The process through which plants turn sunlight into energy via photosynthesis has served as inspiration for a new kind of light sensor. Useful for cutting-edge photovoltaics, optical communications, and cameras.
Future solar cells and other technologies that employ comparable devices might benefit from this development by increasing the efficiency with which they produce energy. Researchers from the University of Michigan in the United States are credited for the finding, which was published in the journal Optica.
Many plants utilize photosynthetic structures, which consist of an area that absorbs light and transmits that energy to a core that generates an electric current.
Because of the intricacy involved in duplicating the efficient flow of energy from one location to another, this arrangement is both very effective and extremely difficult to replicate.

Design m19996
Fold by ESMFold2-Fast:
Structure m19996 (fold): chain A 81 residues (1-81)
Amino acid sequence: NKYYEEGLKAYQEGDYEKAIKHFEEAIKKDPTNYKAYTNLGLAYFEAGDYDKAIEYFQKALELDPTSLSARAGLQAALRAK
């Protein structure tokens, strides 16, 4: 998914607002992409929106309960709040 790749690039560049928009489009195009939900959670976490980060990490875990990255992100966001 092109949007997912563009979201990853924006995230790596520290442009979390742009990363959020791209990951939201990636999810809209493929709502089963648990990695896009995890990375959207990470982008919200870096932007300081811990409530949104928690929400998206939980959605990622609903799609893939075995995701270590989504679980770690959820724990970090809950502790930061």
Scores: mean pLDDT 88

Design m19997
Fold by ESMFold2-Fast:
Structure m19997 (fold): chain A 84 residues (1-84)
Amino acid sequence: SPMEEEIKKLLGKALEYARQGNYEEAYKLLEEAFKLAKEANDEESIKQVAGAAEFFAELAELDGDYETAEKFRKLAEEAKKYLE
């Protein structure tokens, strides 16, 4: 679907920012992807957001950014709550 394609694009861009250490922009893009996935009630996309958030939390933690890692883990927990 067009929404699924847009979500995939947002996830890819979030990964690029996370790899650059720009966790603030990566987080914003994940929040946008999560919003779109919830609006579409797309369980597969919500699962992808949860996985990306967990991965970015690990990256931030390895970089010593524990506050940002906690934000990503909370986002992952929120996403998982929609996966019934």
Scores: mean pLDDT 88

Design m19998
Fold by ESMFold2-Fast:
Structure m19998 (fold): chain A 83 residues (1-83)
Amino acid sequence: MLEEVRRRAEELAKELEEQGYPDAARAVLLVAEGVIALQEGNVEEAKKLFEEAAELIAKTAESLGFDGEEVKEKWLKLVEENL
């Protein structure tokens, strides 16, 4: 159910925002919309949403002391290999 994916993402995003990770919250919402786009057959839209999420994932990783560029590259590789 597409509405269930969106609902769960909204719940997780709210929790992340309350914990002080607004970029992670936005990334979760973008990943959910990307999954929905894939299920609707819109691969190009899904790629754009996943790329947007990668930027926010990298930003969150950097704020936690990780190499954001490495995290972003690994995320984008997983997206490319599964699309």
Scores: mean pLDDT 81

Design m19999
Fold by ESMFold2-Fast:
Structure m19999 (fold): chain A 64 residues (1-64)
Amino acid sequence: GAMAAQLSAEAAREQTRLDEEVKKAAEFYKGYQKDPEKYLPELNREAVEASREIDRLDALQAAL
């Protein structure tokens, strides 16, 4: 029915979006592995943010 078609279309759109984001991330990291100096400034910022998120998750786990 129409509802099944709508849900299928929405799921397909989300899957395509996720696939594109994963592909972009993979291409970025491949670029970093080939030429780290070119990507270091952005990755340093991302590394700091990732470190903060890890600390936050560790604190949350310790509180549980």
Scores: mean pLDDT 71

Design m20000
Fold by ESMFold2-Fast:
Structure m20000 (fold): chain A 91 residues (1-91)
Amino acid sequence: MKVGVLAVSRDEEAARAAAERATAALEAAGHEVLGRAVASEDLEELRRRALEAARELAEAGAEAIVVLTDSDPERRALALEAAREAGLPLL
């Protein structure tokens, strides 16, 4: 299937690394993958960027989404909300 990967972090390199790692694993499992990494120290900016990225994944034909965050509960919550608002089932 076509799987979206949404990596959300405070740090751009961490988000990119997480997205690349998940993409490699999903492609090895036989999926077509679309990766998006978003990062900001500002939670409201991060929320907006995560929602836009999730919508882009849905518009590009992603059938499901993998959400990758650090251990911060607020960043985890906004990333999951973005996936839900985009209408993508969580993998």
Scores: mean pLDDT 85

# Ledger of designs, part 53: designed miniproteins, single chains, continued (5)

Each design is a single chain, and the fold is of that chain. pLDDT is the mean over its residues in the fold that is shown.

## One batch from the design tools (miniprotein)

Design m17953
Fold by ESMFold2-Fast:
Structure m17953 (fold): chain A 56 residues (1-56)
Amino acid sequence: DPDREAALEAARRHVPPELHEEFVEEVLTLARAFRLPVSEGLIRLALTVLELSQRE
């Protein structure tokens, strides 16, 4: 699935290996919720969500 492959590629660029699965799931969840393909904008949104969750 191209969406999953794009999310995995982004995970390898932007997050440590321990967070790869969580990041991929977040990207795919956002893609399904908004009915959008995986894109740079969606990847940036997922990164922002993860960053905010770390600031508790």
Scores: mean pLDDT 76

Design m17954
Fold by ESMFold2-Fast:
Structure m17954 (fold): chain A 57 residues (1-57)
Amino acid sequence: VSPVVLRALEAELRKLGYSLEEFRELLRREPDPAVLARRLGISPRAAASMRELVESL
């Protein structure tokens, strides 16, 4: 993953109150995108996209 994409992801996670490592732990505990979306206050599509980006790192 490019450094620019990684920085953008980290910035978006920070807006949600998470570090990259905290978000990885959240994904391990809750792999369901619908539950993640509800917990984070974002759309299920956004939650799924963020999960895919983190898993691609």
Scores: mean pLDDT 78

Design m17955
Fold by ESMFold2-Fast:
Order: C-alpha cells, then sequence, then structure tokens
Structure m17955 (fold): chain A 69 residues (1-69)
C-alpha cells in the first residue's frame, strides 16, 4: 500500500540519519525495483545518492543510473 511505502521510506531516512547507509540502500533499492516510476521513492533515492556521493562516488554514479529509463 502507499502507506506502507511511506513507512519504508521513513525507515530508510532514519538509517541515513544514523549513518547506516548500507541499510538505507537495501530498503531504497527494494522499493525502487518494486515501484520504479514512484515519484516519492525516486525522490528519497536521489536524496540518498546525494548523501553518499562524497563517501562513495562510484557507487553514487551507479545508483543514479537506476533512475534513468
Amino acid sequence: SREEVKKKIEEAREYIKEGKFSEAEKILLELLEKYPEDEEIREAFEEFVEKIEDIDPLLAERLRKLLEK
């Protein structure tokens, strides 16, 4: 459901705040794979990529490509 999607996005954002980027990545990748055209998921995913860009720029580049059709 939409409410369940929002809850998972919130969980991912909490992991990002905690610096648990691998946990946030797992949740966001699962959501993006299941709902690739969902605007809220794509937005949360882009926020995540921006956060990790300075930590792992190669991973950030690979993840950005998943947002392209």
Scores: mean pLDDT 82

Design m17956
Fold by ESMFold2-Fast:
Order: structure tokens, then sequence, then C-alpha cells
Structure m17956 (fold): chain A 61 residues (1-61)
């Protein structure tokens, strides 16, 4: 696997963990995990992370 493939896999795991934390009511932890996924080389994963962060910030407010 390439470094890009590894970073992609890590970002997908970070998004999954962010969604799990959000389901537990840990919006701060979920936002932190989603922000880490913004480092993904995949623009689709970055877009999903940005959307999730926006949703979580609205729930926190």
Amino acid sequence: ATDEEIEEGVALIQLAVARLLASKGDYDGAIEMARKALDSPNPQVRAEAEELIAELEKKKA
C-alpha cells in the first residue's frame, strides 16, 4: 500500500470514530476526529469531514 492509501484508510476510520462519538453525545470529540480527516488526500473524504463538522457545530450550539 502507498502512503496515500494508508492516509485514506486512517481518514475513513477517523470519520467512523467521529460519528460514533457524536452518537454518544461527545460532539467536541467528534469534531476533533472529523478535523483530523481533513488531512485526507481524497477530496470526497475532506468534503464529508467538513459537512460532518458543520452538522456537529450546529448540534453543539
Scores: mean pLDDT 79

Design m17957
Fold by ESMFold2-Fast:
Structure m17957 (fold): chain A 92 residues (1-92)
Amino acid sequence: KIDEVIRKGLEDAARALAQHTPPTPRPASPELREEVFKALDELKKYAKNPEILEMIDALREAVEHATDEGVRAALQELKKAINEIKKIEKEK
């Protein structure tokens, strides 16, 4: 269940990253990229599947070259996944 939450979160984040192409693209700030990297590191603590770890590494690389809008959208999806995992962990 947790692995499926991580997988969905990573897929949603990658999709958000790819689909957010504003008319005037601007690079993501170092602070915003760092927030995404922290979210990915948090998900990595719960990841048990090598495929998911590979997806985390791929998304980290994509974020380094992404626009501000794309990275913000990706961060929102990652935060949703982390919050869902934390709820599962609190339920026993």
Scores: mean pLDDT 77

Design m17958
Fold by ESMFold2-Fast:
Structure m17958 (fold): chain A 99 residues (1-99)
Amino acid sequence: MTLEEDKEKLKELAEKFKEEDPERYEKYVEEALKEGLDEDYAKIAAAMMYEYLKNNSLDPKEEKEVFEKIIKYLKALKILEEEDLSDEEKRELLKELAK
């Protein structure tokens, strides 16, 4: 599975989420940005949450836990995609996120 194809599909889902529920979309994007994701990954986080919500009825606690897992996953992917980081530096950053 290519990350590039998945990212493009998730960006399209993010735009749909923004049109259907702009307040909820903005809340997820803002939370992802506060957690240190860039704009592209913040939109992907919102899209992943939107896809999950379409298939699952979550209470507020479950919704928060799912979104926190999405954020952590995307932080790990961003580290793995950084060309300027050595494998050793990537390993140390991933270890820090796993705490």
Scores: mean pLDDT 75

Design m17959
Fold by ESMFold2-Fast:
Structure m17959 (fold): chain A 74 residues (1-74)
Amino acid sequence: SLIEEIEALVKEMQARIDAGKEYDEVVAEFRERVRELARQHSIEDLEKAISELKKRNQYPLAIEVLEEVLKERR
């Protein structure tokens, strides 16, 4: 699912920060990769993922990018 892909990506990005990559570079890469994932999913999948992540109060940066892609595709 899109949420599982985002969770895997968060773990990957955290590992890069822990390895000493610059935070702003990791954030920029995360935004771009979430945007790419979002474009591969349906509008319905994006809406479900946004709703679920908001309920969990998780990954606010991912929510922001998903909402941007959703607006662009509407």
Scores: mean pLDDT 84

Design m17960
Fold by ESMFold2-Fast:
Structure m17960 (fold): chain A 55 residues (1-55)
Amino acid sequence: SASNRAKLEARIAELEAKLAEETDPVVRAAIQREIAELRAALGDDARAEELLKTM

Researchers lead by Bin Liu employed polaritons, rare particles that allowed them to do the apparently impossible. According to Stephen Forrest, one of the study’s co-authors, “a polariton combines a photon with an excited molecular state, and hence possesses features that permit long-range energy transmission and conversion.” Forrest explains that their polariton-based photodetector is a first of its kind in the real world.
As shown by the data, the novel sensor is superior to the silicon photodiode, the standard light-to-electricity converter used in most modern optical fibers and solar cells. Also, it was discovered that it could transfer energy across lengths of 0.1 nanometers (one nanometer is equivalent to one billionth of a meter), which is three times larger than what is achieved in plants.